But now science, with its newer application of controlled fire has provided the poultryman with a positive way to destroy disease germs – the blast being applied by an oil burning torch or fire-gun, which generates a tremendous heat, and penetrates every nook and corner, where germs lurk awaiting their opportunity to spread disease and destruction, especially during the usually damp and cool brooding season.
The new owner can be under way with his fire-gun, almost as quickly as the old timer, because the starting and use of the torch is simplicity itself. Operating on the same principle as the ordinary plumber’s blow torch, the gun is lighted and put to work in five minutes time.
There is no trick to the use of the fire-gun. It is simply moved slowly over the surface to be disinfected. It is astonishing how long the flame can be held on the same spot without causing even a discoloration or charring on the floor or woodwork. It is not necessary to blacken or char to obtain perfect sanitation. In fact, carefully treated houses show only a slight trace of coloring on the floor, and an occasional spot on the wall where the gun may have been held too long. On cement floors the same effective results are obtained.
For speedy disinfecting and low cost, torching cannot be beaten. It takes but 10 minutes, and five cents worth of kerosene to thoroughly torch over or disinfect a 12 ft. by 12 ft. house. First remove all straw, litter and like material. Then brush down and scrape the house out to clean. If a hose is available use it. The house is then ready for the fire-gun. The floor and lower side walls should be torched over twice, and once over the remainder of the side walls and ceiling. There is relatively no smoke, no danger of fire and the house is dry and warm ready for immediate use.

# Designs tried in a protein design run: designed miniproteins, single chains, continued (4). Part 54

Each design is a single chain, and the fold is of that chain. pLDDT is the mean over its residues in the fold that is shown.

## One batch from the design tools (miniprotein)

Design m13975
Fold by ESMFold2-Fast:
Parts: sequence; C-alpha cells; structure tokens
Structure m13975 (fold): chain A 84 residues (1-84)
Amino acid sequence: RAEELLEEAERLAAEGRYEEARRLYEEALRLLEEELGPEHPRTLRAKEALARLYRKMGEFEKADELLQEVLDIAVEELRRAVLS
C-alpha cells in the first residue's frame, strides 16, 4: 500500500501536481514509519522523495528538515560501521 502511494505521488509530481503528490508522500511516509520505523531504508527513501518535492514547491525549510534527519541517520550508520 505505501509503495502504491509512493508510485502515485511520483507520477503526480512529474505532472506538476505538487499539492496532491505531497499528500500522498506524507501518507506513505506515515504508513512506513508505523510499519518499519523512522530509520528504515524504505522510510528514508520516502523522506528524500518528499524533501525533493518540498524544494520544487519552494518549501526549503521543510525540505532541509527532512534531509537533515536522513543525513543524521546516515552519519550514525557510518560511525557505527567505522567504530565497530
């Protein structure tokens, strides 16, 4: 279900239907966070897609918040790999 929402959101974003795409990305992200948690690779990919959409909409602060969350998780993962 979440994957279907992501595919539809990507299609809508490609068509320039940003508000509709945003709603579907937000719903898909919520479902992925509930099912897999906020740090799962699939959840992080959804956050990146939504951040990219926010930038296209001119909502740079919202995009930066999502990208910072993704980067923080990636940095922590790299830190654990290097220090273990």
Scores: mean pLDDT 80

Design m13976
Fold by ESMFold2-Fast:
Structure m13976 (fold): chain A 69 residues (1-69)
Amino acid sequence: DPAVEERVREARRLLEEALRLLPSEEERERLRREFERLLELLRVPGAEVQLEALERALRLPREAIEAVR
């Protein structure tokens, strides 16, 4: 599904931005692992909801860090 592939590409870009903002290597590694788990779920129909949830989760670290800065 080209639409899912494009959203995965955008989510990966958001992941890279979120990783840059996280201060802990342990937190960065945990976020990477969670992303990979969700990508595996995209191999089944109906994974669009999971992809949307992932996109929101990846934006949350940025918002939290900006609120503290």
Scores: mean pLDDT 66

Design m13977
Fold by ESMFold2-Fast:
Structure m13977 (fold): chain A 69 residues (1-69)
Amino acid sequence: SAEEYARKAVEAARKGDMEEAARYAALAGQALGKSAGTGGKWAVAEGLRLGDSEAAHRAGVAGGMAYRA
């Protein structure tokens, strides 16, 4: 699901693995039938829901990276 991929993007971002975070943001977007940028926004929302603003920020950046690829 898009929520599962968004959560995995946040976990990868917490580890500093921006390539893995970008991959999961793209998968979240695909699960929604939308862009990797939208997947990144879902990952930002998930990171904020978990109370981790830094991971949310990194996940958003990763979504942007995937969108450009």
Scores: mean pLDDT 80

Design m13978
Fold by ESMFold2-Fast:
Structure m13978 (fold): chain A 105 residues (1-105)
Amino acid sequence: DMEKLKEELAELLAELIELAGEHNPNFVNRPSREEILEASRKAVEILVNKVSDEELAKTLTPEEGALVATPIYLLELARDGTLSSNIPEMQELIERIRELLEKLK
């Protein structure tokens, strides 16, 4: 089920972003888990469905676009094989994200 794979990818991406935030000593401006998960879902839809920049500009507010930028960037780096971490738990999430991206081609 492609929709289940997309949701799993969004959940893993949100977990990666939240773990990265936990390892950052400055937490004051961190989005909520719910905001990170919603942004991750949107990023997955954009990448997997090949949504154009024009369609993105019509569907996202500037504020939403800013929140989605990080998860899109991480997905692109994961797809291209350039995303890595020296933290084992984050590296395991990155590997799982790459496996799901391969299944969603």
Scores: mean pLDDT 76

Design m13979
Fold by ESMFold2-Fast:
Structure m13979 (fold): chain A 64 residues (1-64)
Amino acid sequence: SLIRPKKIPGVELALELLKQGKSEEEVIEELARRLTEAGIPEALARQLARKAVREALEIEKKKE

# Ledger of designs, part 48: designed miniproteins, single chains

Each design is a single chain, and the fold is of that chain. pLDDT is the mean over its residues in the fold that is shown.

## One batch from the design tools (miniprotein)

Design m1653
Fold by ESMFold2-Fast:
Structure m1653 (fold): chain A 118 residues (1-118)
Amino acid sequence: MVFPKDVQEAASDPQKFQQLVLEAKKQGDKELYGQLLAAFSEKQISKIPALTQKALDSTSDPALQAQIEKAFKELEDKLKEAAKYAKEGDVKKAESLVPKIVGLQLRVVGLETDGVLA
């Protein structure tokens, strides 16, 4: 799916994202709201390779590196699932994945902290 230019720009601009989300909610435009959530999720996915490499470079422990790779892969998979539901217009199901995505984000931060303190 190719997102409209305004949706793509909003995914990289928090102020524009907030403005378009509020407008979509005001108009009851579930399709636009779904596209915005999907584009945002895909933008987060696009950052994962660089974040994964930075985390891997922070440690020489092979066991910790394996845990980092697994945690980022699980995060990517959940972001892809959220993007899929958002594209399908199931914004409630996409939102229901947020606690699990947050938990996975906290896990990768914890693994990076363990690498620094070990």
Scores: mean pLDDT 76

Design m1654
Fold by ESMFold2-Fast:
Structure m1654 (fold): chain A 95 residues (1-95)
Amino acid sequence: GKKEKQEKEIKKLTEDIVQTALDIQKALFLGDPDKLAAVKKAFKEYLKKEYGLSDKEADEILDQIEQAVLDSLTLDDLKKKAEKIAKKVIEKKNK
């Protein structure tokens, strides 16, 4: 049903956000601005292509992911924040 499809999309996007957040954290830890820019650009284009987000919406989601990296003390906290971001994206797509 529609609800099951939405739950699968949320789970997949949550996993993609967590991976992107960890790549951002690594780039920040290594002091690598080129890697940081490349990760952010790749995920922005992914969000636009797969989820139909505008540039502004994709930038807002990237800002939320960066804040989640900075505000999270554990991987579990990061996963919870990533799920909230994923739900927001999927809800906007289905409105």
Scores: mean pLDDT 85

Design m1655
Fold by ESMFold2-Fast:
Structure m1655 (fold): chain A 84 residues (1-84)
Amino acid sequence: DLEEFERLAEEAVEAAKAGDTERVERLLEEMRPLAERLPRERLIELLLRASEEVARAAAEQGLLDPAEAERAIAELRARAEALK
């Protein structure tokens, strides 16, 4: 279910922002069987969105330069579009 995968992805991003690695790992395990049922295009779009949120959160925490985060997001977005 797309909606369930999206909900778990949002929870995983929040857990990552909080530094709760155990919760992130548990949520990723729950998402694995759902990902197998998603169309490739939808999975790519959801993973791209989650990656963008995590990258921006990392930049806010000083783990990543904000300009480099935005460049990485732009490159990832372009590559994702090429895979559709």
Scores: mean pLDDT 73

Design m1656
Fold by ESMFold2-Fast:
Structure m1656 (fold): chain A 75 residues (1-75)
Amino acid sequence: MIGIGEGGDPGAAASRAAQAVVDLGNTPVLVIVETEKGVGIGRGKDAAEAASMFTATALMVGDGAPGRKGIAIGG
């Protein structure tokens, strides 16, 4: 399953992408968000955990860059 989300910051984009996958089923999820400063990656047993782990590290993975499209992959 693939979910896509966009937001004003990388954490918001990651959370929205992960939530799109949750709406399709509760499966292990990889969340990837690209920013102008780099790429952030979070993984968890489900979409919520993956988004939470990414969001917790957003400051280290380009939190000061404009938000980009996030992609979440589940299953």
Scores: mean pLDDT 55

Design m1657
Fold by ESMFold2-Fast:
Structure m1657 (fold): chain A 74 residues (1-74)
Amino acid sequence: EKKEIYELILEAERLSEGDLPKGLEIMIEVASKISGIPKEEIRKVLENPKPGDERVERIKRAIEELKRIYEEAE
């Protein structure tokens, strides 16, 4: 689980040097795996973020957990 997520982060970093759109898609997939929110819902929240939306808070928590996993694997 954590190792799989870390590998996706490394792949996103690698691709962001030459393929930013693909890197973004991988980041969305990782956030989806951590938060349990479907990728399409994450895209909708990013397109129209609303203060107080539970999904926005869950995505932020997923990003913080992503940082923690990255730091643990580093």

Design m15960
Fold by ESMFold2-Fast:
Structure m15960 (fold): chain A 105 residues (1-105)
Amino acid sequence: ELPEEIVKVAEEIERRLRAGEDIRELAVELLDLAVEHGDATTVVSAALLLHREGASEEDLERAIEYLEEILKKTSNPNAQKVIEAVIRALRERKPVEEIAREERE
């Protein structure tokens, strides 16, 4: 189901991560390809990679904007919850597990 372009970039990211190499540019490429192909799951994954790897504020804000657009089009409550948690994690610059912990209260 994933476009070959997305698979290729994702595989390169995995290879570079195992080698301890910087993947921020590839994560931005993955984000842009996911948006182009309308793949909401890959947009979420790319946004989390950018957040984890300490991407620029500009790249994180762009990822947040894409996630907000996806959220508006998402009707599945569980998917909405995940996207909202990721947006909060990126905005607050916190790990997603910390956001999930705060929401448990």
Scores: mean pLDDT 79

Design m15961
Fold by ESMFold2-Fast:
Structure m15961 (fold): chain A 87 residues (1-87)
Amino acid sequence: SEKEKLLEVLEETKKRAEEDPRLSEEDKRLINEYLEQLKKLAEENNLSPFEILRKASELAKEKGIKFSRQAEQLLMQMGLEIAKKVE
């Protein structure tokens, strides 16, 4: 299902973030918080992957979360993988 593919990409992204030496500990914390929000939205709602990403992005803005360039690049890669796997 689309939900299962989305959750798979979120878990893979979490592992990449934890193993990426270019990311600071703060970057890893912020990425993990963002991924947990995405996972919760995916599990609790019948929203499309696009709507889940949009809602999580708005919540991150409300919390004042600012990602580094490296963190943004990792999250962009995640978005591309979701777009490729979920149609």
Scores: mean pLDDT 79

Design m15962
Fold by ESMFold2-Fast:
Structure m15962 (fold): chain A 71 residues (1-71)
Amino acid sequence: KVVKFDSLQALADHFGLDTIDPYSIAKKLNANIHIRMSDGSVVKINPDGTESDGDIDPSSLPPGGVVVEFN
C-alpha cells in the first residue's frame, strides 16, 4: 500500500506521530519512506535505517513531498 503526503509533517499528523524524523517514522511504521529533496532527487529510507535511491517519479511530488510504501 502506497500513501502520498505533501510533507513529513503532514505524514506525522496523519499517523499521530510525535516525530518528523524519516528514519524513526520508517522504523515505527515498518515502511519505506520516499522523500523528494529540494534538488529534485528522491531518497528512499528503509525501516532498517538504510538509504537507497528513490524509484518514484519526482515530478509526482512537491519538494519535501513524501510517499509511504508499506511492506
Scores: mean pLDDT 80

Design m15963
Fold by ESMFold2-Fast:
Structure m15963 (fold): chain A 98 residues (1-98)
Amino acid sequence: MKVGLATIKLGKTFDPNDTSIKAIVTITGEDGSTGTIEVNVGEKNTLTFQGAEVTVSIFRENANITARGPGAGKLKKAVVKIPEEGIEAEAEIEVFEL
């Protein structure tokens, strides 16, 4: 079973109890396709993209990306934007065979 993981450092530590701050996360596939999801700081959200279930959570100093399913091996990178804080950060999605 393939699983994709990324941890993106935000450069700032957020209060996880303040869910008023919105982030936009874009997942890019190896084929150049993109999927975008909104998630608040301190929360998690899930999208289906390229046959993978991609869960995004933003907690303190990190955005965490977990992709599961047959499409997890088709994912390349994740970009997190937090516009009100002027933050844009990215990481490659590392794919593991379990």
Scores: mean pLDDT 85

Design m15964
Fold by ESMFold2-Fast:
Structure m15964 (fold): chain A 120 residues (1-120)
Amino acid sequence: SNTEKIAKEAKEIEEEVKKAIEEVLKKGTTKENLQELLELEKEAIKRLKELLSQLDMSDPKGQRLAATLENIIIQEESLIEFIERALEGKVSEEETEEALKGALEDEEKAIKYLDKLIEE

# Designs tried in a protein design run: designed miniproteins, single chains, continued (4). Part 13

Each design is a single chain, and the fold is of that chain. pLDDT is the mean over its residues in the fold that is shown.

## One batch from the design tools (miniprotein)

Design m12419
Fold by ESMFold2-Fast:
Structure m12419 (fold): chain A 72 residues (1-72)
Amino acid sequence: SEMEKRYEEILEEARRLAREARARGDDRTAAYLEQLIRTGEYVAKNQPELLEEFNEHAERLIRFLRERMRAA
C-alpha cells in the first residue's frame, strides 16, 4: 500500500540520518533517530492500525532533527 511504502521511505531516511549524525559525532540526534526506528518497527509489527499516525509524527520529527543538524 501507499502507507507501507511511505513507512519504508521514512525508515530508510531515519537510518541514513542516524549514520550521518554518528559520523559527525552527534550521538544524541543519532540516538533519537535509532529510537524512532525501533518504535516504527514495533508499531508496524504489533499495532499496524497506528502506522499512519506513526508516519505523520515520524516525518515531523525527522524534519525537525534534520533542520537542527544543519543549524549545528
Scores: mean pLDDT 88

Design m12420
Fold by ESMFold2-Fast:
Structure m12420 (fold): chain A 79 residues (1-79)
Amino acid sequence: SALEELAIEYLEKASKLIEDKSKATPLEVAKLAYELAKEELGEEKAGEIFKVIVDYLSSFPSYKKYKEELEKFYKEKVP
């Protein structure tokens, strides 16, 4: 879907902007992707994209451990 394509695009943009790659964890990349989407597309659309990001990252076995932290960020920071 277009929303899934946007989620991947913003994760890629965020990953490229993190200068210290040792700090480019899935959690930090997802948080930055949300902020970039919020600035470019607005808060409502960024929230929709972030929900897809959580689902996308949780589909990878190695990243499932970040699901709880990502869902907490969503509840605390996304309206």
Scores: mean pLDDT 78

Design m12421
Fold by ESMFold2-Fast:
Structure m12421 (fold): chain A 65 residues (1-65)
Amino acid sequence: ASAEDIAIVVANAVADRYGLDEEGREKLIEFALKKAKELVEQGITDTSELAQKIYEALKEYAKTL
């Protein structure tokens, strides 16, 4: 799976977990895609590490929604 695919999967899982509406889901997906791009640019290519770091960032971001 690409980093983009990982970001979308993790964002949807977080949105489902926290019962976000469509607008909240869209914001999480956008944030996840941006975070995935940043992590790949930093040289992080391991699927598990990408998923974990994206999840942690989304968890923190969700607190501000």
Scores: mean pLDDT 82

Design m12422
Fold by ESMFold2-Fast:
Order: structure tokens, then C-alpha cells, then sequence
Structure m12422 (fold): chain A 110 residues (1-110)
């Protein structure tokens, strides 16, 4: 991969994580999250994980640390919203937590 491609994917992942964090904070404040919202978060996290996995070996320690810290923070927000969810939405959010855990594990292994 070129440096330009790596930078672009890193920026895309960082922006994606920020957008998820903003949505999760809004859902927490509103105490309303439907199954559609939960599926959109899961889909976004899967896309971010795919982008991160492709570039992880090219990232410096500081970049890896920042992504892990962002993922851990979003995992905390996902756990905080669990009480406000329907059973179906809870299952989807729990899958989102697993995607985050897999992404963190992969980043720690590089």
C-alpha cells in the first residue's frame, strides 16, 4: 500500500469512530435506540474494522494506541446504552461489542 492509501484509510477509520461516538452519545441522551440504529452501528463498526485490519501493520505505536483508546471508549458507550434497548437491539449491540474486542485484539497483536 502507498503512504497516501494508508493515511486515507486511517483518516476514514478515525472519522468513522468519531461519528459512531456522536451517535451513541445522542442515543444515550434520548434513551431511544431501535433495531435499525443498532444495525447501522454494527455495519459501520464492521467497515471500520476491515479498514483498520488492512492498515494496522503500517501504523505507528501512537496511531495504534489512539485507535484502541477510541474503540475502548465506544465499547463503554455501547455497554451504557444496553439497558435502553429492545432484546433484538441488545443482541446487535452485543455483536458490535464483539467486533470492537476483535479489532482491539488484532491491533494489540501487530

As a precaution, in buildings where woodwork and boards are old and decayed, it is advisable to have a few pails of water handy for an emergency, because decayed wood catches fire very easily.
Special attention should be given the threshold and corridors. Much infection arises by this route, and they should be gone over as regularly as the floors and walls of the house. Concrete platforms and yards should be burned out once a week to kill roundworm eggs.
Equipment used should also be burned over after each cleaning. Dropping board scrapers, hose, shovels, metal feed troughs, water fountains, often sources of infection, should also be burned over or torched.